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Gold Line revision offers development potential

A revised route for the Gold Line bus rapid transit line would trade long-term development opportunities in Woodbury for a short-term ridership boost and investment possibilities.

A Gateway Corridor Commission panel this month recommended a new route that would move the line away from a set of empty lots and open fields slated for long-term development to one of the city’s more popular retail and jobs corridors along Bielenberg Drive.

But there are still good transit-oriented development opportunities, said Janelle Schmitz, assistant community development director at the city of Woodbury.

“It’s not a green field, but there’s also density there to build upon versus building from scratch,” she said. “That energy and momentum is kind of already there and started.”

The new 9-mile Gold Line route would travel along the Interstate 94 corridor from the Union Depot in downtown St. Paul to Woodbury, stopping in Maplewood at the 3M Co. headquarters and at park-and-rides in Landfall and Oakdale along the way.

After stopping at Helmo Avenue in Oakdale, the line would turn south and cross over I-94 on a new bridge to Bielenberg Drive and continue to the park-and-ride lot next to the Woodbury Theatre at 1470 Queens Drive. The lot is adjacent to the Woodbury Village shopping center.

The original route would have stayed close to I-94, stopping near undeveloped land at Settlers Ridge Parkway and Hudson Road, before continuing on to Lake Elmo. That plan changed in January, when Lake Elmo City Council members voted to leave the project, sending Gold Line planners back to the drawing board.

The corridor along Bielenberg Drive is now home to nearly 800,000 square feet of retail and more than 1.1 million square feet of office space, including a Medtronic data center, according to city data.

Those existing retail establishments, which include hotels, restaurants and a theater, could be a faster bet for bringing in riders and sparking new development along the route, Schmitz said. It also has potential for redevelopment or investment in some aging properties in the Woodbury Village area, she added.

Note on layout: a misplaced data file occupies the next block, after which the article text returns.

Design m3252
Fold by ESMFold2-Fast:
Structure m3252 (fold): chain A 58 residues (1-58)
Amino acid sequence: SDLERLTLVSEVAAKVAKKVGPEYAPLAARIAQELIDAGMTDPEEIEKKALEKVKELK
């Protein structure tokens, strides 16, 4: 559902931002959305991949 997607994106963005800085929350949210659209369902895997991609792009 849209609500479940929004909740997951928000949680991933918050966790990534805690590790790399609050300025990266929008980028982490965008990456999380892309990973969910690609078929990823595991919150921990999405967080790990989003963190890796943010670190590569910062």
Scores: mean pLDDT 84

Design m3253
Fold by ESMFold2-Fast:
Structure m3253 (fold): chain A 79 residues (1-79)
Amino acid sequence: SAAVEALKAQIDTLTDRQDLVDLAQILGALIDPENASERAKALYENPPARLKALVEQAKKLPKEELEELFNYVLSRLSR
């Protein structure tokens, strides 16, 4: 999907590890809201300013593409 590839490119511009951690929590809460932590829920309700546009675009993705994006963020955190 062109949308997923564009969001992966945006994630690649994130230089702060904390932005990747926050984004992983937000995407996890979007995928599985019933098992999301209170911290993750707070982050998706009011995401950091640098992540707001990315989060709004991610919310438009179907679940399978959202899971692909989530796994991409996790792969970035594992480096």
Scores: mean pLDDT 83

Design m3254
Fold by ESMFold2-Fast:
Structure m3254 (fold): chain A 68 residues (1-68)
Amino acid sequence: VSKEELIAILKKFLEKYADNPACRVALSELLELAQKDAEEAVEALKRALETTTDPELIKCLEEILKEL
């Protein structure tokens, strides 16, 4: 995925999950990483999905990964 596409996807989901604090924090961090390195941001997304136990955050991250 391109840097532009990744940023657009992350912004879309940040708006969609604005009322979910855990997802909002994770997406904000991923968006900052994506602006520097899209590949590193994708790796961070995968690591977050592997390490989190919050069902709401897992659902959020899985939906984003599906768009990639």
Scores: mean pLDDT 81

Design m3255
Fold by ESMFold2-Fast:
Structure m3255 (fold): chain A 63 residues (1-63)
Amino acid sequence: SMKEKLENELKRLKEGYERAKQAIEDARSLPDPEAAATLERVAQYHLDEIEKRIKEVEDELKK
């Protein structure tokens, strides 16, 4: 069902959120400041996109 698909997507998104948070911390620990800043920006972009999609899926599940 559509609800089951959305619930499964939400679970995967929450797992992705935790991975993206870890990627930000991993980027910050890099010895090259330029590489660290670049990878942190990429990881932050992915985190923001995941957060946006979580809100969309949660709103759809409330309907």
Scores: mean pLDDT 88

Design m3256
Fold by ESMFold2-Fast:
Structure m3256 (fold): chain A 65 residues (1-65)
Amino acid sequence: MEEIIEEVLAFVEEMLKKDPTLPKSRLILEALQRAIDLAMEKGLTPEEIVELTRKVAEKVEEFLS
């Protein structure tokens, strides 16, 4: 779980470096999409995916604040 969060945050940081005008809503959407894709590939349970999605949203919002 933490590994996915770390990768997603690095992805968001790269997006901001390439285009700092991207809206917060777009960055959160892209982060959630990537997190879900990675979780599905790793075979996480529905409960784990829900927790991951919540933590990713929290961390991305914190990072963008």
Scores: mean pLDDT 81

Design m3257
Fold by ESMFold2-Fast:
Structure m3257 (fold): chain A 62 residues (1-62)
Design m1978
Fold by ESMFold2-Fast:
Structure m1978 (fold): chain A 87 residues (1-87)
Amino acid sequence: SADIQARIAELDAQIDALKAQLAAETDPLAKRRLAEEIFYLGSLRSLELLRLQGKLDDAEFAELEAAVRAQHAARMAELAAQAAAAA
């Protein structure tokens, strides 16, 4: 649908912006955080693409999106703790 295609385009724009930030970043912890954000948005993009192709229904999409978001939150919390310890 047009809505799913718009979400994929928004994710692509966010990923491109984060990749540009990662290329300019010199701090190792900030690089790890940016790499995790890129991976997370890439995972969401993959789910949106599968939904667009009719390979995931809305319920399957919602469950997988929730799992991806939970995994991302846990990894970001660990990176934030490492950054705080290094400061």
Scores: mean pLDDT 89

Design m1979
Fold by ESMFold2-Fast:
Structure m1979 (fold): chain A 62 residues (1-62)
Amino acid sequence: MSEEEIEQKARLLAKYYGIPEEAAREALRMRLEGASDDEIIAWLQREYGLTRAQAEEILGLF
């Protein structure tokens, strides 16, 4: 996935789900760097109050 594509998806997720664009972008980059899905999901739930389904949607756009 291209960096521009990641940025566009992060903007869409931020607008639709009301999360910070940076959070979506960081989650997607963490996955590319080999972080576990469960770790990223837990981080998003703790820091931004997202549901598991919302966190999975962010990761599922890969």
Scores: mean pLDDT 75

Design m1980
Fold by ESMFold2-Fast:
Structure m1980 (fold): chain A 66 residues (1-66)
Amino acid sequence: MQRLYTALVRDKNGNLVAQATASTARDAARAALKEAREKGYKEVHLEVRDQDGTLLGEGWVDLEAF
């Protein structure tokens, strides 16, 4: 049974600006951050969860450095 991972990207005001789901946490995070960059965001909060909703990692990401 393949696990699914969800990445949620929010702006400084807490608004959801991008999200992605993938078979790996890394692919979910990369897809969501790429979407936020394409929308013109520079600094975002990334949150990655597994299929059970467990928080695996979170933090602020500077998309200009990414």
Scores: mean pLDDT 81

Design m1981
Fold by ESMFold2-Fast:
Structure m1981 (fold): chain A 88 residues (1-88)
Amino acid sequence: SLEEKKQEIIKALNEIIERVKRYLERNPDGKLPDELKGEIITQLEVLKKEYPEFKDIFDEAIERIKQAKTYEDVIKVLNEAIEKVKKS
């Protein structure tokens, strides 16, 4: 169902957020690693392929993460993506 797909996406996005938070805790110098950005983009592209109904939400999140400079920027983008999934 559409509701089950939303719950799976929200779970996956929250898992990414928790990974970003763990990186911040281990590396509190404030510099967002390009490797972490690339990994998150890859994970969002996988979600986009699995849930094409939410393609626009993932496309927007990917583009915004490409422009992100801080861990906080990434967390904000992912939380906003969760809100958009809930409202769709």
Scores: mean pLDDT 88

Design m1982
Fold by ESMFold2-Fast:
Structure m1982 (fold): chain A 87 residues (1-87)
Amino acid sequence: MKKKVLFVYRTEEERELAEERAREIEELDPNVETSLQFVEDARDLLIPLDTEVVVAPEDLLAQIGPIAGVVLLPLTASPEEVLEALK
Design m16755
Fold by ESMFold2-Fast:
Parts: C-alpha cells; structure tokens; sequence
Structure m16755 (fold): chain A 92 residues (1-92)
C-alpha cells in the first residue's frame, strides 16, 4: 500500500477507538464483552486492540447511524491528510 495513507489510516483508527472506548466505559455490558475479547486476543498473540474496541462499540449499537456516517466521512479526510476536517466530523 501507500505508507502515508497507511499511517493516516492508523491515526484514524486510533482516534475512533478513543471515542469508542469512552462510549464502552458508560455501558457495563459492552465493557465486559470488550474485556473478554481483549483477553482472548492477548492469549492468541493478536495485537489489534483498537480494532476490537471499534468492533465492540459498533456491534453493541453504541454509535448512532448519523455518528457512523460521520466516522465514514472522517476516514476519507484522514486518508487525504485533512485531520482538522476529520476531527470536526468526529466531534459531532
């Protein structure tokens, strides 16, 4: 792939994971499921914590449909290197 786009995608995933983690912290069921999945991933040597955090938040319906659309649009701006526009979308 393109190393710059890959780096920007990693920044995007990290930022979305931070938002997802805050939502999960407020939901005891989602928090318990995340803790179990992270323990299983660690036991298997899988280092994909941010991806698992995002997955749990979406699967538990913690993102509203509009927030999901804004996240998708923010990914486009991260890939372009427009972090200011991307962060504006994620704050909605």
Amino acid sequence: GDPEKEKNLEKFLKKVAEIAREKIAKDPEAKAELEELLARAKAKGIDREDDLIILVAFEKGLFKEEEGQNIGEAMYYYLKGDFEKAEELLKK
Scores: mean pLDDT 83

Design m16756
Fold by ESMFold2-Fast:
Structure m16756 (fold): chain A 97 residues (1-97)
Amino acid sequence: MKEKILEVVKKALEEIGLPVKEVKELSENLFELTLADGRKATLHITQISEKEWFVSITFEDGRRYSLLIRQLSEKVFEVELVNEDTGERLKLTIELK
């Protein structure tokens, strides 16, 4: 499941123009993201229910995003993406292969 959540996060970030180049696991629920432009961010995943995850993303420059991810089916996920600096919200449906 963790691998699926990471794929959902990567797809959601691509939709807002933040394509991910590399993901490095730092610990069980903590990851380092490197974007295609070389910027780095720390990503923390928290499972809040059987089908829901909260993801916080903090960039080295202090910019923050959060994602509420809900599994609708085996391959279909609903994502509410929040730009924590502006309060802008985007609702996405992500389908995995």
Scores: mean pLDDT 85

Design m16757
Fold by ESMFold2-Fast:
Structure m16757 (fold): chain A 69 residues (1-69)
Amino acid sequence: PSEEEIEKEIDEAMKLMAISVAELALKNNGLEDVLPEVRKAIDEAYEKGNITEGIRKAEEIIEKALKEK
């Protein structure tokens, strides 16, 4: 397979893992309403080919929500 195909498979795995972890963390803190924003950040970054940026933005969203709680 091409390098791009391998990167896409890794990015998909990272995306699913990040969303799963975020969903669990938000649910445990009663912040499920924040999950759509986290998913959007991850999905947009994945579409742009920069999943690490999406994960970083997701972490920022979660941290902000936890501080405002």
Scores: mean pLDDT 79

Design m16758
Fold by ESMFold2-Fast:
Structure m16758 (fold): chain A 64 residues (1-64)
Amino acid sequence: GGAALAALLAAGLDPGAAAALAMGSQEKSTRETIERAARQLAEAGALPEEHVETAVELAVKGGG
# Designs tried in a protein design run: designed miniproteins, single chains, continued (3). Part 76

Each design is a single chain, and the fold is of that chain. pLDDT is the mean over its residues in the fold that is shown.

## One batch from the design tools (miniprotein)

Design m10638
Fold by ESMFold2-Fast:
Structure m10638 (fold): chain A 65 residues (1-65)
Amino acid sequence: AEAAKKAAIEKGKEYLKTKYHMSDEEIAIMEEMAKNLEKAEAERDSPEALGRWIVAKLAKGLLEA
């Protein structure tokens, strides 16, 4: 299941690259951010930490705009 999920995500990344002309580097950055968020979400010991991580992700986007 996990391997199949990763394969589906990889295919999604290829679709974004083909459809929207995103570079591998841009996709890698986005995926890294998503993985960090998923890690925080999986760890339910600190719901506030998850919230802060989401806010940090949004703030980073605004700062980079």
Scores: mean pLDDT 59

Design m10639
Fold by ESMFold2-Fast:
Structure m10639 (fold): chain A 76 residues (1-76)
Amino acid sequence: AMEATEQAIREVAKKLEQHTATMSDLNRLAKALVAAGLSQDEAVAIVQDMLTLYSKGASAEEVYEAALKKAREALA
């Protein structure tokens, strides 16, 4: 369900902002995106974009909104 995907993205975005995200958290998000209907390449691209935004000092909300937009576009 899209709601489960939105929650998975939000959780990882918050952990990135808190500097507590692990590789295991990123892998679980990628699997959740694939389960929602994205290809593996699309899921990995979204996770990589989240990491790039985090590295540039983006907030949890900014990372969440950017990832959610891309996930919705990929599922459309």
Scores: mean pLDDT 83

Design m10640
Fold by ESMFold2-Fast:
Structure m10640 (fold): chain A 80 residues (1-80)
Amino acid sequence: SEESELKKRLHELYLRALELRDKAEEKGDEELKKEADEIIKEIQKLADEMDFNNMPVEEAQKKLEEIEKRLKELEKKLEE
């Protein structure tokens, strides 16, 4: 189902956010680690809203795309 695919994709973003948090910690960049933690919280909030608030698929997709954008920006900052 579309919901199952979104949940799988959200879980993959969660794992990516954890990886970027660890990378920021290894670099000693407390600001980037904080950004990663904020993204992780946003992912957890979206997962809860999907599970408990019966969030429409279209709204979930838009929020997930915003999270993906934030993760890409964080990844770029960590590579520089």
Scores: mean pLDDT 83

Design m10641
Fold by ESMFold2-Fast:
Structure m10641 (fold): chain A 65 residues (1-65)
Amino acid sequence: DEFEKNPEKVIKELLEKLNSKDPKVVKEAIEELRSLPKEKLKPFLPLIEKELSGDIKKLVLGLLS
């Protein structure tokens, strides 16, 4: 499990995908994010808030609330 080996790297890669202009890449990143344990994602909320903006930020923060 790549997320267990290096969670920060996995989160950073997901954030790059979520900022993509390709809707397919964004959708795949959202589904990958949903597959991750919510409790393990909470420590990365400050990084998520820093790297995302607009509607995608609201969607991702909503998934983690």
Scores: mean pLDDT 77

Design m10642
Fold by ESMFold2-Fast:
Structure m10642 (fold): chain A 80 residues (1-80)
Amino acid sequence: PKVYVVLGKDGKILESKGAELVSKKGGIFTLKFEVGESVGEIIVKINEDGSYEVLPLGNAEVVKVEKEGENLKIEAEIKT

The corridor also has open swaths of mostly privately owned land including a couple of parcels just north of Tamarack Road on either side of Bielenberg Drive, Schmitz said.

The Metropolitan Council owns the 10-acre property that currently offers a Metro Transit park-and-ride with 515 spaces and the Woodbury Theatre.

In the past, regional and city planners have considered that site for a parking ramp or a joint development opportunity, said Lyssa Leitner, the Gold Line project manager for Washington County. Now, as cities and the county mull the latest recommended Gold Line route, those conversations are buzzing again, she said.

“Ten acres is a huge site,” she said. “Metro Transit, in the last 10 years, has gotten a lot more savvy at that particular kind of development. So it seems like it’s something that might be a really great opportunity.”

Metro Transit hasn’t said what its plans are for the site, or whether they’d reopen discussions about redevelopment.

“The [transit-oriented development] plan will include public engagement plans; an analysis of housing and employment in the corridor; and plans for infrastructure, circulation and land use,” Lucy Galbraith, Metro Transit’s director of transit-oriented development, said in a statement.

If adopted, the new route is expected to draw about 400 more rides a day in the near term, up from about 5,000 daily rides with the Lake Elmo route.

But long-term estimated ridership isn’t as high as it was when the route traveled along I-94 to Lake Elmo. By 2040, the new alignment is expected to see about 8,000 rides daily, 600 fewer than the original proposal.

The project is still a good deal, Leitner said, because the cost of the new route would drop by about $25 million, even with the new bridge over I-94. The project’s price tag was initially $485 million.

Both Woodbury and Oakdale will vote on the new alignment next month. The other cities along the route won’t need to vote on the route again because the alignment has only changed on the eastern end. Washington County is expected to vote on the change by the end of the year.

“I think it’s that balance of what are you going to have on opening day for ridership and what are the opportunities to increase development and economic development over time,” Schmitz said.

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